The first clear night, I hauled the 80mm refractor out into the back yard, under a frigid evening sky, a nearly full-moon looming in the east above the oaks and the neighbor's house.  I couldn't wait to see the splendor of the heavens...those colors in the galaxies and nebulas, those endless starfields, the rings of Saturn...

  I was 12, and didn't realize that you can't see color through a backyard telescope, that the moon washes out faint objects, and that a small telescope is an exercise in exquisite subtlety, not that solar eclipse gut punch.  I was crushed.  I've rarely been so disappointed.  I remember my mom comforting me, and glumly staring at the floor mat in the car as we rode to the grocery store.  Thankfully, I gave it a second chance.  I joined a local astronomy club (and am still a member!)  I learned about how to observe "deep sky" objects on moonless nights.  I saw the rings of Saturn, the moons and bands of Jupiter, and trained my young, and powerful, eye to see ancient light from galaxies far, far away, keeping up with older guys with fancier equipment.  I learned the constellations, the mythology, the quiet of the night. I could "star hop", using a chart to navigate light years from the suburban backyard I called home.  I spent many hours at the eyepiece of the awesome little scope that Uncle Joe had sent the family, drinking in the splendor of the heavens...not the pulsing dance music I first imagined it to be, but a delicate Chopin nocturne.  And, when I thought of it, I realized this dainty tinkling of keys was the echo of a symphony greater than human comprehension, the very birth and death of stars echoing across eternity.  And, at the end of a night of stargazing, or even on an evening when my earthly troubles seems to crowd my head to distraction and I had little time for observing, sprawling out on the lawn and looking into infinity reminds me of my place in the sky, and grounds me with perspective.

  So, if you're feeling "eh" about the eclipse, I totally get it.  The hype can be exhausting.  To cure yourself of these blues, give it a second glance. Find a buddy with a scope, or a local "star party", as they call them.  Go see the rings of Saturn, and the craters on the moon.  Go out to the country, and gaze in wonder at the countless stars sprinkled across the velvet.  But, most important of all, as one of my friends and mentors always says..."Keep looking up."  There's a stillness in the vastness, and a peace in the infinite.  And, start planning for 2024.  I'll be in Texas, watching the next total solar eclipse.  Gotta have that shadow time, man!  I'm hooked!

Thursday, August 24, 2017

The Weekend Challenge - Good News

The Morning Show is a blog companion to the podcast audio

  Good morning, and HAPPY FRIDAY!  Man oh man, this is going to be quite a weekend. Hitting the road for the final leg of the summer tour, heading to Richmond, VA, to DJ, host a radio show (tune in from 3-5 pm est on Saturday at, play street music, drive to Asheville, NC, play some more street music, and on Monday, drive to Clemson, SC, to watch the total solar eclipse.  WOO!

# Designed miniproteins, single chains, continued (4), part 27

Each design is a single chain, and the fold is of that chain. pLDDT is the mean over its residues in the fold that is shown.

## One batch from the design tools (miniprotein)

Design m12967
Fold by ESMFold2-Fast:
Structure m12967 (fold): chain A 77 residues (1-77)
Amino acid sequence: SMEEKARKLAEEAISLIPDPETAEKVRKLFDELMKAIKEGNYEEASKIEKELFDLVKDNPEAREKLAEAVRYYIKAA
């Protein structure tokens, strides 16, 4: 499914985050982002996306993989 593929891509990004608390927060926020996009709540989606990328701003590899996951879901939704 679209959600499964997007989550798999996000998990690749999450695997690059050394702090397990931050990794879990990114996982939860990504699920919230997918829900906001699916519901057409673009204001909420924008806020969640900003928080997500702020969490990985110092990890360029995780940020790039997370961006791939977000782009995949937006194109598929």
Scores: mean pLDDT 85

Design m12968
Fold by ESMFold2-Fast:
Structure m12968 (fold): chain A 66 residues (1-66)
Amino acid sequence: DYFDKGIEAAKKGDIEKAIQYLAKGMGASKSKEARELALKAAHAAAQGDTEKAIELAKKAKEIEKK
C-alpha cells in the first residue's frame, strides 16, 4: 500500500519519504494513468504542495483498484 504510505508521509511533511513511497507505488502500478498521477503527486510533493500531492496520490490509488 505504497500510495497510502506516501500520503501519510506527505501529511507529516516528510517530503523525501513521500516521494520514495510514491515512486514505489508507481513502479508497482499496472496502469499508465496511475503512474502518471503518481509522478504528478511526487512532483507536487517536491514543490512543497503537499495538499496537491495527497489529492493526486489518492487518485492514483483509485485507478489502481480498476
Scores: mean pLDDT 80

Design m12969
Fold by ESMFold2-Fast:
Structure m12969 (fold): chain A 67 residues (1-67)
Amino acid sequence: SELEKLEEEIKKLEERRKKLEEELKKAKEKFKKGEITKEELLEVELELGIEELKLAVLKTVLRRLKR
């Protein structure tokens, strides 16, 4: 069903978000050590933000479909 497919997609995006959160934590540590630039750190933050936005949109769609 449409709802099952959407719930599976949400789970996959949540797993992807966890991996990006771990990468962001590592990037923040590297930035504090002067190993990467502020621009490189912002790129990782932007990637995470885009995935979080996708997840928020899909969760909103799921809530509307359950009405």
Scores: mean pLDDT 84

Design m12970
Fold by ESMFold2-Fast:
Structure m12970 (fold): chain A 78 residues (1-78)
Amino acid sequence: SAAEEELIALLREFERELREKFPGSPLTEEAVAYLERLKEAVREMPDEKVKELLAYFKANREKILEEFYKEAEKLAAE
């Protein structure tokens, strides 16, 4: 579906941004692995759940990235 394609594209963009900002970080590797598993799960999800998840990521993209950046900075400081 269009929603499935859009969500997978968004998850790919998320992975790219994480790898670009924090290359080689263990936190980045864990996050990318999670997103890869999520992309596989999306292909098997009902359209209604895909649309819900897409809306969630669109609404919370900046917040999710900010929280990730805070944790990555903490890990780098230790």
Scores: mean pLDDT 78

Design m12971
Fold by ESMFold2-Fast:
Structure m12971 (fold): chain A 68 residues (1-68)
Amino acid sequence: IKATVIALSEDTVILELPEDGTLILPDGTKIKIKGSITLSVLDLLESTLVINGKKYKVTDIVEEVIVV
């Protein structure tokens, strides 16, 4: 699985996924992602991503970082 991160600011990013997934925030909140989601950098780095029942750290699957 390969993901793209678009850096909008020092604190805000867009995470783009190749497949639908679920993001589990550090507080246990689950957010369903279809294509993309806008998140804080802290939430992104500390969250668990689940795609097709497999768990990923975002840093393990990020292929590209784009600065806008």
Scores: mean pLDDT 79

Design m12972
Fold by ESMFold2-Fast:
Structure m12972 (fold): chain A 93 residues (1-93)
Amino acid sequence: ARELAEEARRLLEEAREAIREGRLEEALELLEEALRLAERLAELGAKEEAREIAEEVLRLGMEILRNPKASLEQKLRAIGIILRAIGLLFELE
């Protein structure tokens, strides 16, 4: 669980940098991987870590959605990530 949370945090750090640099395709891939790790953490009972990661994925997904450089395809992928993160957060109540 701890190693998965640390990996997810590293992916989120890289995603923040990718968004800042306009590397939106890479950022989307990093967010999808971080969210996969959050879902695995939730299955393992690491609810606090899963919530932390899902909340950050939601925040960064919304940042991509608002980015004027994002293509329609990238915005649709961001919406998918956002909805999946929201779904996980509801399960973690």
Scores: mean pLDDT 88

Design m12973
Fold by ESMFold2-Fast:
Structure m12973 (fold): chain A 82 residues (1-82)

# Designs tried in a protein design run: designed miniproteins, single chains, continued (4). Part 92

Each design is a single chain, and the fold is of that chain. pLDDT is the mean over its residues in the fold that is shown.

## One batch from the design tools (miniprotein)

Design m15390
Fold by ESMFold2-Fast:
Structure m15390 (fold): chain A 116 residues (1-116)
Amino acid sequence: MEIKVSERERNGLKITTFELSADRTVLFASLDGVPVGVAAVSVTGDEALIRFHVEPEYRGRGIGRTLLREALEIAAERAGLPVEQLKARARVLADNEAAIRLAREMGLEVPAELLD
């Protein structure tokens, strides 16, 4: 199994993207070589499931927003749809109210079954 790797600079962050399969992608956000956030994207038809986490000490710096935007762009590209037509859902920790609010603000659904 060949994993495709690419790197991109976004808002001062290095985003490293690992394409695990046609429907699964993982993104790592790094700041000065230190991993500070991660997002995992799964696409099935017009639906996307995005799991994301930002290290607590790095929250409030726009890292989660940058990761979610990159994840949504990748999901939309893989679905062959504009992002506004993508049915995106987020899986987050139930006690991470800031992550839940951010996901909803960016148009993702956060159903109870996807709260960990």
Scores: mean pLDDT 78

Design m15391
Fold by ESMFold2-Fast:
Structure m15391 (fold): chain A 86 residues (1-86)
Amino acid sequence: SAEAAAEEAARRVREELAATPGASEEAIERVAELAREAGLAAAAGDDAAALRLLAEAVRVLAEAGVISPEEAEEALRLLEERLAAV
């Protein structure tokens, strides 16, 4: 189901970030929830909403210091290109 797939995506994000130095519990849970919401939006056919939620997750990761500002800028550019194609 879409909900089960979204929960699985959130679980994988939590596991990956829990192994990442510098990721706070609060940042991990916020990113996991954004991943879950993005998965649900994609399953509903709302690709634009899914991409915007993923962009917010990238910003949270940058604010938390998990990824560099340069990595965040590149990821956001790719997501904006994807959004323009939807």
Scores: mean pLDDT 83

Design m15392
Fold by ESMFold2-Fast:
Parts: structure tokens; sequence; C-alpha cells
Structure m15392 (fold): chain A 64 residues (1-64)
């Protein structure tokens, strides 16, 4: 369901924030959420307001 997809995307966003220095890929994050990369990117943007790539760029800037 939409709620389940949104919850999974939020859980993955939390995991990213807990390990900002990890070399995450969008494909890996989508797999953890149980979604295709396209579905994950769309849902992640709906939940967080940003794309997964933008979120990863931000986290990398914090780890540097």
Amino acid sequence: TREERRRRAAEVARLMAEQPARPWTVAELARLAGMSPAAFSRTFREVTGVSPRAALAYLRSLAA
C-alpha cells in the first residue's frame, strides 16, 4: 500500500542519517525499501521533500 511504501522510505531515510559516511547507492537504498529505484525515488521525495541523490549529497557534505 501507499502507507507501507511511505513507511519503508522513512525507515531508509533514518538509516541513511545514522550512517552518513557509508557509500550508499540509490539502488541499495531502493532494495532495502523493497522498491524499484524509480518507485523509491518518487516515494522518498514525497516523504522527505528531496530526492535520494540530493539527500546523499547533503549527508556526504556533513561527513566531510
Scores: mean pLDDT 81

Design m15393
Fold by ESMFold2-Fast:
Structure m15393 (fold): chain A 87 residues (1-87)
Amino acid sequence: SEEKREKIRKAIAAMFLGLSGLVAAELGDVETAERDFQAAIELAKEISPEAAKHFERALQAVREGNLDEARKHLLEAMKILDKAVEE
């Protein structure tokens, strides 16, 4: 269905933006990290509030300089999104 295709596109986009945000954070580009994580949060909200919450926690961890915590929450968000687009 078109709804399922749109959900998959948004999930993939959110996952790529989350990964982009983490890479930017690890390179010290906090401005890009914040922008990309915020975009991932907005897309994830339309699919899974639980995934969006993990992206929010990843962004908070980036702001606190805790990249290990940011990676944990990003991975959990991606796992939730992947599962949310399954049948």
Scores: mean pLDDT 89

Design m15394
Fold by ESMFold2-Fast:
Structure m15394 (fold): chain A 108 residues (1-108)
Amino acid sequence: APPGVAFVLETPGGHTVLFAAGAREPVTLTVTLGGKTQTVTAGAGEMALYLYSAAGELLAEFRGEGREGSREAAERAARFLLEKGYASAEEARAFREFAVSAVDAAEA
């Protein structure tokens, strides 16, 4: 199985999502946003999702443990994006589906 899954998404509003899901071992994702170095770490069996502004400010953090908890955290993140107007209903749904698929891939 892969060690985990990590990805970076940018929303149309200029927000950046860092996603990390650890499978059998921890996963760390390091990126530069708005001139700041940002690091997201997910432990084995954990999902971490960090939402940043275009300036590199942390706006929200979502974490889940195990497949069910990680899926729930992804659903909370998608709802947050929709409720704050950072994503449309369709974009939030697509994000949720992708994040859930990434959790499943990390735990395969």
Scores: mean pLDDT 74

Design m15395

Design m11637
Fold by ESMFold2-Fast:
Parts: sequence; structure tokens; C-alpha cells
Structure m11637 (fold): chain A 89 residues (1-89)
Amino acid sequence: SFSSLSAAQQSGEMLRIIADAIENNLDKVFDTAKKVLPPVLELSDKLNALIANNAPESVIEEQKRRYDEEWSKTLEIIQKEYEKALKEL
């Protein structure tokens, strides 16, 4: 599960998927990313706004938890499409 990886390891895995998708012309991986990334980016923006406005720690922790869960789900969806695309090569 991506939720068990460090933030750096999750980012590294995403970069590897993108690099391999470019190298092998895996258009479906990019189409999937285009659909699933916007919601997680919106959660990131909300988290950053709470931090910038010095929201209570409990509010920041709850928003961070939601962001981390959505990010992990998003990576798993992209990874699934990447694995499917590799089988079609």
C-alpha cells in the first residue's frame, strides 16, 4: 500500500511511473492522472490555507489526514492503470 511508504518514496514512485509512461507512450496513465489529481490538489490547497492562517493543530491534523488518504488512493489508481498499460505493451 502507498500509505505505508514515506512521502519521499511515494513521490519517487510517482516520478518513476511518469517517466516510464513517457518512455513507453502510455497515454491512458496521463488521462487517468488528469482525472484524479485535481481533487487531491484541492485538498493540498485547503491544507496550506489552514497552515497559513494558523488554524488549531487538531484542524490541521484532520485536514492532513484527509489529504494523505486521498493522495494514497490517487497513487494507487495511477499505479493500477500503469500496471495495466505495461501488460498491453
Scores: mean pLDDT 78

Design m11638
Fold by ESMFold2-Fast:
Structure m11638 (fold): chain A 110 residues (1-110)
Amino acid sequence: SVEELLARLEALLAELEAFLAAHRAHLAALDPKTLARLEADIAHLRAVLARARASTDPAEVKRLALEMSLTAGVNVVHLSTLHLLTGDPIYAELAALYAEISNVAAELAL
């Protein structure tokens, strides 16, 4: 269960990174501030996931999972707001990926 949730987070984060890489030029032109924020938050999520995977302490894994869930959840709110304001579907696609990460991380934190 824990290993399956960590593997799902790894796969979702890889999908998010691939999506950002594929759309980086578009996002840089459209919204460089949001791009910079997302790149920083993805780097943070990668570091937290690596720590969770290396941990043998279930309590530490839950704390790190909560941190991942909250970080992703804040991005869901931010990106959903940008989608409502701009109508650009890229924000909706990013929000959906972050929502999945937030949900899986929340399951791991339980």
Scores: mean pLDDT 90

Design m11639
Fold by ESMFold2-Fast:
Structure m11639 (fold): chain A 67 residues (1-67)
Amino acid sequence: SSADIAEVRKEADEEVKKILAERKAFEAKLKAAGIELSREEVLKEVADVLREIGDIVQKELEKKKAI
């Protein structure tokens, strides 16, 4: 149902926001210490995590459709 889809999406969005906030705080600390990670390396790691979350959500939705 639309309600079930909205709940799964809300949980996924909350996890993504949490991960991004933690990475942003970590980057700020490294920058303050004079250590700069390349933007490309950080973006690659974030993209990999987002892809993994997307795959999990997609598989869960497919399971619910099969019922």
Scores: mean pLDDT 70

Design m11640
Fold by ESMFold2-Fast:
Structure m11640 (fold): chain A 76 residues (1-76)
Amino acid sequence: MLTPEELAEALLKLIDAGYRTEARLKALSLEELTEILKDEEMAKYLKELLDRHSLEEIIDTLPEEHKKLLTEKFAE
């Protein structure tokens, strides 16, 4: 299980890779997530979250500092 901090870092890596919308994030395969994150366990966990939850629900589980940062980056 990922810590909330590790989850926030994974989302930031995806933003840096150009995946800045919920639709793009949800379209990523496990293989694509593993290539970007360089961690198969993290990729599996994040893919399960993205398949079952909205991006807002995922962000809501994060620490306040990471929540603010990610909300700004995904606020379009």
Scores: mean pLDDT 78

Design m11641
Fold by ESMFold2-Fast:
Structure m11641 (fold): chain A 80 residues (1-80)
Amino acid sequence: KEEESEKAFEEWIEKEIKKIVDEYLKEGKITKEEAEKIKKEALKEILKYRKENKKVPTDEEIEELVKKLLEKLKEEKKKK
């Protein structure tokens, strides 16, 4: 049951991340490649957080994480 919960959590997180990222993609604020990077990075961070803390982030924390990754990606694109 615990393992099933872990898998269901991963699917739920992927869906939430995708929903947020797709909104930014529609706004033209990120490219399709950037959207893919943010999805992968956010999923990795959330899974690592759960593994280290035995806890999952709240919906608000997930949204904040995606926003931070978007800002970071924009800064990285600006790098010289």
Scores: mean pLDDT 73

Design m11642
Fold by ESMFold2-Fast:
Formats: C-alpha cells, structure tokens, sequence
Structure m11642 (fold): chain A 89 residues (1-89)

And speaking of tour, have got a magnificent story from NYC that I haven't told you yet, and it brings us to the Weekend Challenge - make some good news.  Here's how some remarkable people brightened my world the other week.

   I was playing my broom near Times Square.  A weird guy drifted by.  "if I give you fifty cents, can I use your phone?"  "'s broken..uh, nah."  Not many people were on the side street.  I moved north, setting up on Broadway, right across from the Winter Garden theater, advertising the School of Rock musicial.  The parade of humanity kept trudging by, and there were a few fun broom jams here and there...a little girl with a magical smile, and her dad joined in with the Taylor Swift song.  Some teenagers...I was fading, and I needed lunch.  I gave myself fifteen more minutes before break.  Idly playing some blues on the broom, I look up to see a surfer dude and his girl run right up to me.  "Do you" they started.  This usually doesn't end well on the street when random people ask me things.  I'm a sober non-smoker and apparently, a disappointment to many people.  "Do you want to go see School of Rock?"  "Excuse me?"  "Yes!  We have an extra ticket to the show, and we're trying to give it away.  You seem like a cool guy, and we'd love to take you to see it."  "ALRIGHT THEN!"  I packed up my broom, my guitar, my backpack, my stomp fiddle..."Hang on, we've gotta tell our mates!" in a wonderful British accent. They bounded across Broadway, returning with even more exuberant friends.  "YAYY!  JOSH!"  There were hugs, and hurried introductions to Oskar and Megan and Joanne and Tom and Michael and Ekaterina, a charming crew of Brits, Swedes, and Russians, some now living in Mexico.  There was a brief line, security saying "unzip that guitar case, boss", and...entry!  The front of house lady said "Woah woah woah, are you going fishing?"  Had I been faster on my feet, I would have said "FOR ADVENTURE!", but I just mumbled about street music and the kindness of strangers.  She pointed me to the coat check, and then there I was, sitting in row L, about to see not on my first  Broadway show, but one based on a movie that I've based my career on.  It was stunning.  It was inspiring.  I was pumping my fist in the air by the end, yelling "STICK IT TO THE MAN!" as the music thundered through the room.  We enthused together during intermission and after the show.  Their graciousness, joy of kindness, and welcoming was incredible.  Did I mention they even gave me the best seat?  There were a block of decent seats, and then one really good one on it's own.  They wouldn't even switch halfway through.  WOW!